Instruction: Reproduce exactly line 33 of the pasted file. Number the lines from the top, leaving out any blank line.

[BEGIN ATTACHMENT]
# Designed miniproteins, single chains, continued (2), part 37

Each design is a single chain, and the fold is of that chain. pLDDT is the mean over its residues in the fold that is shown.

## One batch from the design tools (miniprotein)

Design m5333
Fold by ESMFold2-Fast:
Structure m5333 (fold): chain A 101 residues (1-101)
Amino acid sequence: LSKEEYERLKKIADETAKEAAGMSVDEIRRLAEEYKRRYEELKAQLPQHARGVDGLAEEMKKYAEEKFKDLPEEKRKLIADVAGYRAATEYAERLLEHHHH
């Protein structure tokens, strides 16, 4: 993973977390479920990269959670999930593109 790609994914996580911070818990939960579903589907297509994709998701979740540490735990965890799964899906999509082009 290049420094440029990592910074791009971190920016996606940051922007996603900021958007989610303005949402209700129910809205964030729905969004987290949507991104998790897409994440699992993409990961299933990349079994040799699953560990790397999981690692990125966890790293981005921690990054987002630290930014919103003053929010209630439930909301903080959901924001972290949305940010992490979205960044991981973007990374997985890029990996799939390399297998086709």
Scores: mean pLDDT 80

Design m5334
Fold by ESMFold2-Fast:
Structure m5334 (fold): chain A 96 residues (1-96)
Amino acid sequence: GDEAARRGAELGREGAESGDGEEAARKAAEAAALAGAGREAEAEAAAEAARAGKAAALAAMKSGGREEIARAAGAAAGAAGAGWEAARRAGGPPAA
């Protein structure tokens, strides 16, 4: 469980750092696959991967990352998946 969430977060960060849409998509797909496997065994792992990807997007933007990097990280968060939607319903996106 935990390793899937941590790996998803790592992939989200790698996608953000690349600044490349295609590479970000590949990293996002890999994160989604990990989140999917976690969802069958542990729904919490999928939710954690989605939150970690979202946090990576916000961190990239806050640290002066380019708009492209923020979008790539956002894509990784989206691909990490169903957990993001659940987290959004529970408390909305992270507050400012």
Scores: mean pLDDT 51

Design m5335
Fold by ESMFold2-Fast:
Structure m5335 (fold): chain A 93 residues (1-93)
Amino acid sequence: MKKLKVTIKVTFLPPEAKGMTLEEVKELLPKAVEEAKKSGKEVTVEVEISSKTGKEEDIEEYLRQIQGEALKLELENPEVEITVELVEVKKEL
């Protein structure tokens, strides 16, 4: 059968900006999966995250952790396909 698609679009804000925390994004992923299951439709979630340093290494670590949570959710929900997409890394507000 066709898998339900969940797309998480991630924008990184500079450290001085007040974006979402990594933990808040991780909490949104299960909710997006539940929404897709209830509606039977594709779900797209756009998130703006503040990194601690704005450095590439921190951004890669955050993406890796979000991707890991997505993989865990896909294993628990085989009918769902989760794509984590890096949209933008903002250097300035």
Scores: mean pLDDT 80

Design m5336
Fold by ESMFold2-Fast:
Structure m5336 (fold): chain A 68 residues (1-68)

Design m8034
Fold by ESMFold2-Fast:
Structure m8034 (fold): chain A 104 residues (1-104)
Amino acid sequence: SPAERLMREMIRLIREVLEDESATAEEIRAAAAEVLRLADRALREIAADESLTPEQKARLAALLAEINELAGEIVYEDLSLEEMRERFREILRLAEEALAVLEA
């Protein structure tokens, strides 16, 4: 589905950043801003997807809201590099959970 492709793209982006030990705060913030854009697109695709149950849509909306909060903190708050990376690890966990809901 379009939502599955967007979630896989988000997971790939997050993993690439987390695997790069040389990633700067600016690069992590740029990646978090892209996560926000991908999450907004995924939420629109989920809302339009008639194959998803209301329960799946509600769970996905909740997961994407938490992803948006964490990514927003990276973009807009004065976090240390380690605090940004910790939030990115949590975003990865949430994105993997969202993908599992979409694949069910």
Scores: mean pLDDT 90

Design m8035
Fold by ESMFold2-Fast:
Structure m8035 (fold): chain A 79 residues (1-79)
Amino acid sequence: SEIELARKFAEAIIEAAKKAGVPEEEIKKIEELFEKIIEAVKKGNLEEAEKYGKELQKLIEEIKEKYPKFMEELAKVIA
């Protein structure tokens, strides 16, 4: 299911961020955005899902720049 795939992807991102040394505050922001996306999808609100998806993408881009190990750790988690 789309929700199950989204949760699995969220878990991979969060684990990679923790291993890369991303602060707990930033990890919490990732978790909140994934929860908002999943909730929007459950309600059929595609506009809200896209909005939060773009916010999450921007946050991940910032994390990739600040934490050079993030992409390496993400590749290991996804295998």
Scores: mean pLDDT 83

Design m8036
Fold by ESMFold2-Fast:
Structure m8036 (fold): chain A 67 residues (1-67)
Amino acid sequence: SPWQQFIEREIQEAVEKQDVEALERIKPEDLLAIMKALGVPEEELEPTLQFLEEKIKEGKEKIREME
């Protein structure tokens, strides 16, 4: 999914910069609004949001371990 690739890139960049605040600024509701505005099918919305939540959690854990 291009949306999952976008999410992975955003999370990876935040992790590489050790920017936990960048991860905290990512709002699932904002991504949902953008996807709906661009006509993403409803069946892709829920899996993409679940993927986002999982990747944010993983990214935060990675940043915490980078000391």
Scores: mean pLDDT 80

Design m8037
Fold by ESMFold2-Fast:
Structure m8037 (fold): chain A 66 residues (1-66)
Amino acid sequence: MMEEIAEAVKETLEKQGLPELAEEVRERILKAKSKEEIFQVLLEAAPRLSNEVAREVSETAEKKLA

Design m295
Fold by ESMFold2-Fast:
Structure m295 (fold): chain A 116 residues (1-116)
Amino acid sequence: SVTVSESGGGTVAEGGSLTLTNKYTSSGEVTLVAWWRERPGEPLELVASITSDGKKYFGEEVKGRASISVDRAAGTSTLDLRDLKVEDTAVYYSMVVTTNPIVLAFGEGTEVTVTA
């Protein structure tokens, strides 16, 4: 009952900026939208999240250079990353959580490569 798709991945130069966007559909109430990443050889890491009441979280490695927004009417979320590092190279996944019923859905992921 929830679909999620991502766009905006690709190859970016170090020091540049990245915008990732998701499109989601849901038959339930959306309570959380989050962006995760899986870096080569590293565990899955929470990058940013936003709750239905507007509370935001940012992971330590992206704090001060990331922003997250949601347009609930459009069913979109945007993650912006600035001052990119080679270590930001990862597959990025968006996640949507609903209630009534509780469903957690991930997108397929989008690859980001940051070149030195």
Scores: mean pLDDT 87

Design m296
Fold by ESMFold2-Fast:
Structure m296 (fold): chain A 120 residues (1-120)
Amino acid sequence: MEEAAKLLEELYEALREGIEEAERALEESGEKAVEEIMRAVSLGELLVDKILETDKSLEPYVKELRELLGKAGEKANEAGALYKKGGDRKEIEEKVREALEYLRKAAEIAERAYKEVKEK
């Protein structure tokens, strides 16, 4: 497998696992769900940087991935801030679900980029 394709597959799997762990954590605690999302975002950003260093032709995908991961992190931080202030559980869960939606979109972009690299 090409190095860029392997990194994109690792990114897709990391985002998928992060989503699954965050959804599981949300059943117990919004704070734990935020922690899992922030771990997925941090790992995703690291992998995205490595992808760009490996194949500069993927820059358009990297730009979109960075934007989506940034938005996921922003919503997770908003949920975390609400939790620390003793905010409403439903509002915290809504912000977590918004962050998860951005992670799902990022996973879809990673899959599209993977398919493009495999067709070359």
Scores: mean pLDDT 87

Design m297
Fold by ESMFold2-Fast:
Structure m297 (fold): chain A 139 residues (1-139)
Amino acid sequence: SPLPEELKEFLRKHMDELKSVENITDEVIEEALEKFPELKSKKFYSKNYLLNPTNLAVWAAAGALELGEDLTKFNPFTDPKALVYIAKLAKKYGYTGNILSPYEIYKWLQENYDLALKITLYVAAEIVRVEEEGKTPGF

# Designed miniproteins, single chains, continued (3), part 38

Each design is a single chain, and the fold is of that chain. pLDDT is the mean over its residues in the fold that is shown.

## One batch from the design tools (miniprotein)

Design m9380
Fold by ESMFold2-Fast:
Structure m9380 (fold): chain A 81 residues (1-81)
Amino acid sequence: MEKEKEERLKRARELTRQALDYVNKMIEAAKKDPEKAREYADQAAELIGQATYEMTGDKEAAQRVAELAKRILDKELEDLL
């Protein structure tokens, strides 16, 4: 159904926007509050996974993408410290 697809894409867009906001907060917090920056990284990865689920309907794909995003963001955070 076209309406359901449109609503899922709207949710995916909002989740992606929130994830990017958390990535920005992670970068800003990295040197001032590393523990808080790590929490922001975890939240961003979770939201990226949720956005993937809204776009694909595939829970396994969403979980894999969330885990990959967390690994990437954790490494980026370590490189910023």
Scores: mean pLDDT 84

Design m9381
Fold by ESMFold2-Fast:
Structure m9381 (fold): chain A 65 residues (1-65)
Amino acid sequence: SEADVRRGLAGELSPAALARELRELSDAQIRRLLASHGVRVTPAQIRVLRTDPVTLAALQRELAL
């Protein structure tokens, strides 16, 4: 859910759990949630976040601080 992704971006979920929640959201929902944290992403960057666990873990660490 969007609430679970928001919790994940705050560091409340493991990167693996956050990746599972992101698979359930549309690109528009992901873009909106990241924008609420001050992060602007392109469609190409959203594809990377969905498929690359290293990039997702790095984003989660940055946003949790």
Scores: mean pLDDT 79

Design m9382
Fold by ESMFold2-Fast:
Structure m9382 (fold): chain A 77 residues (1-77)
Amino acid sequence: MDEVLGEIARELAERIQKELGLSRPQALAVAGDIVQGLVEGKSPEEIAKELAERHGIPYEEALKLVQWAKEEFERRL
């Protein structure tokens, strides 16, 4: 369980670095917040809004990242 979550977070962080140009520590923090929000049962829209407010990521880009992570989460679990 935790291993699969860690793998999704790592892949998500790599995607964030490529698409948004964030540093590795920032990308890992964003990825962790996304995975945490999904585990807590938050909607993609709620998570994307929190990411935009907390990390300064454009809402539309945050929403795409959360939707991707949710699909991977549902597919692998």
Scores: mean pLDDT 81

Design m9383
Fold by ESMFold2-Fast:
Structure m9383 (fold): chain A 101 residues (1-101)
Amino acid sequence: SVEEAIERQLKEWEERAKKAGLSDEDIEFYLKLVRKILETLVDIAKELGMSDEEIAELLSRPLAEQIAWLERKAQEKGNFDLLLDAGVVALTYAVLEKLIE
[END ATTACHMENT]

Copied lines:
Structure m8035 (fold): chain A 79 residues (1-79)